The Temple Institute: Temple Talk: 13 Adar 1, 5768/February 19, 2008

"Make holy garments for Aaron your brother, for splendor and for beauty."
(Exodus 28:2)

What happened to the big picture? What ever became of Mount Sinai: the smoking mountain, the meeting of heaven and earth? The ten commandments? The two tablets of the law? Why is G-d obsessing, as it were, with the intricate details of a certain set of garments so idiosyncratic in their design and purpose that one, and only one man is allowed to don them?

Is the Torah a book of lofty ideals and principles intended to shape and guide all of humanity, and if so, why does it allow itself to become, at times, an instruction manual for so seemingly arcane an idea as the priestly garments? The answer lies in the Torah's intention not merely to propose an ethical and righteous way for man to live, but to inspire man with the desire to fulfill the word of Torah and infuse man with the means to perform G-d's will. The same G-d who created man in such wondrous detail so that man could strive to be a vehicle for good in all his actions has now instructed the children of Israel to employ their G-d-given abilities in creating the eight splendid garments of the High Priest.

We recall that G-d fashioned for Adam, the first man, garments of skin when, after Adam's sin, he and Eve were sent from Eden. These garments were to protect man as he made his way through this harsh world. The garments of the High Priest are intended to facilitate man's return to G-d. The various components of the bigdei kehuna - priestly garments - are designed to reflect and perfect the various foibles of man's nature. For example, the golden tzitz - crown - worn across the forehead of the high priest can serve to atone for arrogance; the breastplate for misjudgments; the blue robe for evil speech. Each aspect of the garments corresponds to and can fix the inherent weaknesses of man. Only one man, (the High Priest), is permitted to put on the bigdei kehuna, and in only one place on earth is he permitted to do so - the Holy Temple. One man, an Adam representing his entire generation, in the Garden of Eden, location of the Holy Temple, wearing the garments whose design and detail, "splendor and beauty," represent G-d's desire to see his children bedecked in the visible glory of our inherent goodness: seeing us in our best light.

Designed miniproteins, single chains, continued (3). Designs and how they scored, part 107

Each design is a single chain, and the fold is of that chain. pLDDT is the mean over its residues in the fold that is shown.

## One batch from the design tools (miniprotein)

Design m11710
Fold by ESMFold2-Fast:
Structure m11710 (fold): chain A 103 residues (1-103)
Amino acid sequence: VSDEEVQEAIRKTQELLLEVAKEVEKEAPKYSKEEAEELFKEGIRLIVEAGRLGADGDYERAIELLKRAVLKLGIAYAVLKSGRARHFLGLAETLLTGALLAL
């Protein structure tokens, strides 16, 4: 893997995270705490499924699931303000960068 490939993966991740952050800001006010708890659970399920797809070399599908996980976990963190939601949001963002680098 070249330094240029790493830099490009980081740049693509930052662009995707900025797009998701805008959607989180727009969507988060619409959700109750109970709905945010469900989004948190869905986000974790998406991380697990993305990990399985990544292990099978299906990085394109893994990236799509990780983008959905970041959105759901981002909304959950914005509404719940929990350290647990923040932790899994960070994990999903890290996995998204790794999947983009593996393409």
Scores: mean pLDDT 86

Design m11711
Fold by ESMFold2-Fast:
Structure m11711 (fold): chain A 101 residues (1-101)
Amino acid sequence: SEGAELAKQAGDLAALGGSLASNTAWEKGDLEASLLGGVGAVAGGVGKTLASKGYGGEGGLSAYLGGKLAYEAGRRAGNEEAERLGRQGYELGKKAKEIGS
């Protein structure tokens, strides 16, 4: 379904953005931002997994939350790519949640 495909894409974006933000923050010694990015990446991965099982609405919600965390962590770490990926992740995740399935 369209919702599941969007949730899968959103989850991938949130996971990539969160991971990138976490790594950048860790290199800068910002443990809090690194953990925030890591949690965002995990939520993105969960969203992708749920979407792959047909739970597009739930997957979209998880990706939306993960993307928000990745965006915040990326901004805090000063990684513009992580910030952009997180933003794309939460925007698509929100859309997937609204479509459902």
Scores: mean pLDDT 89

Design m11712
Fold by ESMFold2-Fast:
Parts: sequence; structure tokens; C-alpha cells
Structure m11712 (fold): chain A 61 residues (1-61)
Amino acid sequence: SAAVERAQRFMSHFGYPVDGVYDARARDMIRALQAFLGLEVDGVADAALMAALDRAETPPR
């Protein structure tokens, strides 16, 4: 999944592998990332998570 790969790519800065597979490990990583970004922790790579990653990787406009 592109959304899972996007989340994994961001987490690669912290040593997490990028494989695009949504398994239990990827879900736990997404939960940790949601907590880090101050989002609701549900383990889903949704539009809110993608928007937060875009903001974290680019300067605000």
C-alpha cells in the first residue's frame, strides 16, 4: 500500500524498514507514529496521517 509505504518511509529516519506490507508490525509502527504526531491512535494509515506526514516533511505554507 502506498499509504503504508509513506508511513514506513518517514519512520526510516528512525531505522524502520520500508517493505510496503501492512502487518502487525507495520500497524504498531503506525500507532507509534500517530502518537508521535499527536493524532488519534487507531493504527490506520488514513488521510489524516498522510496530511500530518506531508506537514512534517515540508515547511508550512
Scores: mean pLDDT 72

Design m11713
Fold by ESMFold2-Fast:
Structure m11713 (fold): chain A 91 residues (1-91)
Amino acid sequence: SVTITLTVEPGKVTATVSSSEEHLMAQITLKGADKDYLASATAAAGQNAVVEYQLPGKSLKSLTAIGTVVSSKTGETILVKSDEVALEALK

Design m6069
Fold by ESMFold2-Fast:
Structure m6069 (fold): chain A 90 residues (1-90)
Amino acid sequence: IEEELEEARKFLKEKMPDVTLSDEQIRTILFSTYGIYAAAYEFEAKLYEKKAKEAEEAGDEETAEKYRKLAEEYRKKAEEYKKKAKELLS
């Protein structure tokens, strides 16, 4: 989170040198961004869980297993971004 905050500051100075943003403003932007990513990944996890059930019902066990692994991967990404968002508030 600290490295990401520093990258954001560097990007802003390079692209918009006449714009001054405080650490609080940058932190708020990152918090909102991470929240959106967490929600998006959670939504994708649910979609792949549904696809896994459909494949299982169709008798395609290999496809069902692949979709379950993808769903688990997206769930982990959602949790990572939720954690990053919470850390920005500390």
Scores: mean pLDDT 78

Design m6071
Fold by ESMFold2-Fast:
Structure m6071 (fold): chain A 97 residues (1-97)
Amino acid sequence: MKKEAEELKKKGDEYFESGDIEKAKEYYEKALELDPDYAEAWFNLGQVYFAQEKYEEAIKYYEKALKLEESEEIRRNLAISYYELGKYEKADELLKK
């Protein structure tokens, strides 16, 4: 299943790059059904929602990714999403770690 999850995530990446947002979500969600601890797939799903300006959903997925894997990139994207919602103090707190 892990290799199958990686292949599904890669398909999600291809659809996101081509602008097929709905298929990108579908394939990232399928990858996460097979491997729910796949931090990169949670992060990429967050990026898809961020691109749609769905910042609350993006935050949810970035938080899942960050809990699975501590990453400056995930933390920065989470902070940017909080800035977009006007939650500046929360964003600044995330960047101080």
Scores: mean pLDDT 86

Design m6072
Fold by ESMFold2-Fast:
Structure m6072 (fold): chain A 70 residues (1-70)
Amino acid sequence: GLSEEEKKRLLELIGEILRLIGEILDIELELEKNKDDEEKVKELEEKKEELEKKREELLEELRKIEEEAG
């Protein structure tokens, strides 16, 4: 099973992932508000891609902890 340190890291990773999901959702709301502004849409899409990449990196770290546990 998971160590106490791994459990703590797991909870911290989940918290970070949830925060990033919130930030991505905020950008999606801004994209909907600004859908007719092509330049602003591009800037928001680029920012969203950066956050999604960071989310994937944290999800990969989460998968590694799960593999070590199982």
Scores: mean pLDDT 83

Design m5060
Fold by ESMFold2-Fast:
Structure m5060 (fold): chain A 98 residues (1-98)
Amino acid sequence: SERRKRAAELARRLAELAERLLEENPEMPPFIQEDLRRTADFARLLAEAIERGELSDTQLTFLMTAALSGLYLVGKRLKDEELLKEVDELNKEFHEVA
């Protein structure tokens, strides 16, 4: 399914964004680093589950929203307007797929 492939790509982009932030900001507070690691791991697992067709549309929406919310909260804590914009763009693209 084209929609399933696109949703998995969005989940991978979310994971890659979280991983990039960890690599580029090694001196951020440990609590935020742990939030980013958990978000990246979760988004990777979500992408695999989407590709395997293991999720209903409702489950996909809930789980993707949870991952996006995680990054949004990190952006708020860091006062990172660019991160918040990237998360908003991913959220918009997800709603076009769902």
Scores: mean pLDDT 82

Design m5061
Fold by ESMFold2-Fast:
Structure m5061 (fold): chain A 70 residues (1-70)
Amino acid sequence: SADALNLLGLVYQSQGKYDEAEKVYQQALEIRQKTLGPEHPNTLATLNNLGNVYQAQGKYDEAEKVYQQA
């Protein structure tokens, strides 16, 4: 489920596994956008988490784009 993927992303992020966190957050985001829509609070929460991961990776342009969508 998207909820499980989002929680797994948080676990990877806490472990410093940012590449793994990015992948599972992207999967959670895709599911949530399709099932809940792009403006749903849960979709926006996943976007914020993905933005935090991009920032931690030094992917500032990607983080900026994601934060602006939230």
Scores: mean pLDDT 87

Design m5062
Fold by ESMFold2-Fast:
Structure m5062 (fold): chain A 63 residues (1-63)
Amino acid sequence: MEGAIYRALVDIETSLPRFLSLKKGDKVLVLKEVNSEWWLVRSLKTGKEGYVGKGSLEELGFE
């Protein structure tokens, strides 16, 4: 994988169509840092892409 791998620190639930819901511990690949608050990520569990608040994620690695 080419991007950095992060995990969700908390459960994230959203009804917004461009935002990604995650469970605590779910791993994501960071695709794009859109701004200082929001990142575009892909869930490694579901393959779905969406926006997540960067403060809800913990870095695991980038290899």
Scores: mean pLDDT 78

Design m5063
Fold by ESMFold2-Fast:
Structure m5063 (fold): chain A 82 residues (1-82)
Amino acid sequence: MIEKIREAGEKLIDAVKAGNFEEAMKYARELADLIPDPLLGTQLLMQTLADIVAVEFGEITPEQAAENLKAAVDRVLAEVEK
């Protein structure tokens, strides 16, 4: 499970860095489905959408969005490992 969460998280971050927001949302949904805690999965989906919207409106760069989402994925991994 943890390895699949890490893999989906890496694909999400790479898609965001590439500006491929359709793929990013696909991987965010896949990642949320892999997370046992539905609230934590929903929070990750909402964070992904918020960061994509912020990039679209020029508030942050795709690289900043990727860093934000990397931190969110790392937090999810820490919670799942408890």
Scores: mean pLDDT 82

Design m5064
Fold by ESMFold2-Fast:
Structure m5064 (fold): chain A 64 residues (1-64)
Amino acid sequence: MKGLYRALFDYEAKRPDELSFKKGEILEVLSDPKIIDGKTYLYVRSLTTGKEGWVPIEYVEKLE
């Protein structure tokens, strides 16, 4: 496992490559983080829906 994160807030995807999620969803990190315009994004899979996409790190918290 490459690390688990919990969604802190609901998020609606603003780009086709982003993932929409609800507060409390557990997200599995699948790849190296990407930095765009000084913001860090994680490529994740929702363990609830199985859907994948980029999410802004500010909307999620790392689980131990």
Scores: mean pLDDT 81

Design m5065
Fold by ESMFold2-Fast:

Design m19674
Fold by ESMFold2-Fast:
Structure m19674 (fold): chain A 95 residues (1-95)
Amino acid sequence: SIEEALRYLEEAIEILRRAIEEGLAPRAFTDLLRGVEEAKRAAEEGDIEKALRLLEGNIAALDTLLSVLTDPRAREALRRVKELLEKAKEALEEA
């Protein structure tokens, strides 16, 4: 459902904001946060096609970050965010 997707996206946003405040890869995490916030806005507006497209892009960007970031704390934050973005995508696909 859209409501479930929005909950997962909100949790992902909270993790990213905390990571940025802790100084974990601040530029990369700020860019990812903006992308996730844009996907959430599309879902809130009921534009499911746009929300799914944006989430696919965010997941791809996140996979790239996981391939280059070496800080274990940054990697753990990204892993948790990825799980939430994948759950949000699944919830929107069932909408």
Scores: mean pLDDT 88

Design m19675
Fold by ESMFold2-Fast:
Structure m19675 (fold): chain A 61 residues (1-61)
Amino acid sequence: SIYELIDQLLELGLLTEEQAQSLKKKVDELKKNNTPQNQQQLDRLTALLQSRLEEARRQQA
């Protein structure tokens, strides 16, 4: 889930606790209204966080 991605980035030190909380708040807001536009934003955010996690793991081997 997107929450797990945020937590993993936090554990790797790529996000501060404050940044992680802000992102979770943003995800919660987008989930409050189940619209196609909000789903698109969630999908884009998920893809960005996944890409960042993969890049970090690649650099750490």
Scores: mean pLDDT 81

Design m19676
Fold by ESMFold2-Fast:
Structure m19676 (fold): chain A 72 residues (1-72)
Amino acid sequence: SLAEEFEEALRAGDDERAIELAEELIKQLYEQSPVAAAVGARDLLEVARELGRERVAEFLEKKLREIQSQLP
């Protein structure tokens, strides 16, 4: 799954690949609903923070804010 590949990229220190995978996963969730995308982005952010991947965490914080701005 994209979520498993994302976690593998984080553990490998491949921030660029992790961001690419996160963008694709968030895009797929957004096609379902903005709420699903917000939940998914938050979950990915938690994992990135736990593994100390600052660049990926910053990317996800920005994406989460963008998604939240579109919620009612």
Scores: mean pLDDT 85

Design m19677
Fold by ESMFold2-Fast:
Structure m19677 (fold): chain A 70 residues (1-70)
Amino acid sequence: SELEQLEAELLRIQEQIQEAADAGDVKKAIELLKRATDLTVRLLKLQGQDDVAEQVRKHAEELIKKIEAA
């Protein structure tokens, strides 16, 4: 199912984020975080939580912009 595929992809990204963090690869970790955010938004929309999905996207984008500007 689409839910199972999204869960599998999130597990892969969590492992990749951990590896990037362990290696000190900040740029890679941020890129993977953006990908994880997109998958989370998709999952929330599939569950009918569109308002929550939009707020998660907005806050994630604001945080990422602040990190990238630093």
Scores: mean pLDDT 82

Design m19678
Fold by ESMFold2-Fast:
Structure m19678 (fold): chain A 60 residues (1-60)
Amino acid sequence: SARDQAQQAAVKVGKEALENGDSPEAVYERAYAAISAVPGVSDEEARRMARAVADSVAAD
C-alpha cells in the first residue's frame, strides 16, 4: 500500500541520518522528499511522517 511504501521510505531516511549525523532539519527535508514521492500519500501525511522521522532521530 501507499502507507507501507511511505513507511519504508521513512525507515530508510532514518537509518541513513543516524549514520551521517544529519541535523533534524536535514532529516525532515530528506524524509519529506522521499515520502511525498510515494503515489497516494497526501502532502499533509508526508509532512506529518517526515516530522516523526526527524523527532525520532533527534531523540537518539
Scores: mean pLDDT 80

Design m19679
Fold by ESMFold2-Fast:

Join Rabbi Chaim Richman and Yitzchak Reuven in this week's TEMPLE TALK as they discuss the Torah reading of Tetzaveh, G-d's wishes for mankind and our challenge to beautify ourselves through the performance of G-d's commandments in order to stand before Him. Also: an in-depth analysis of the Torah commandment to build the Holy Temple, and why that commandment remains preeminently relevant today.

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Part 1
Part 2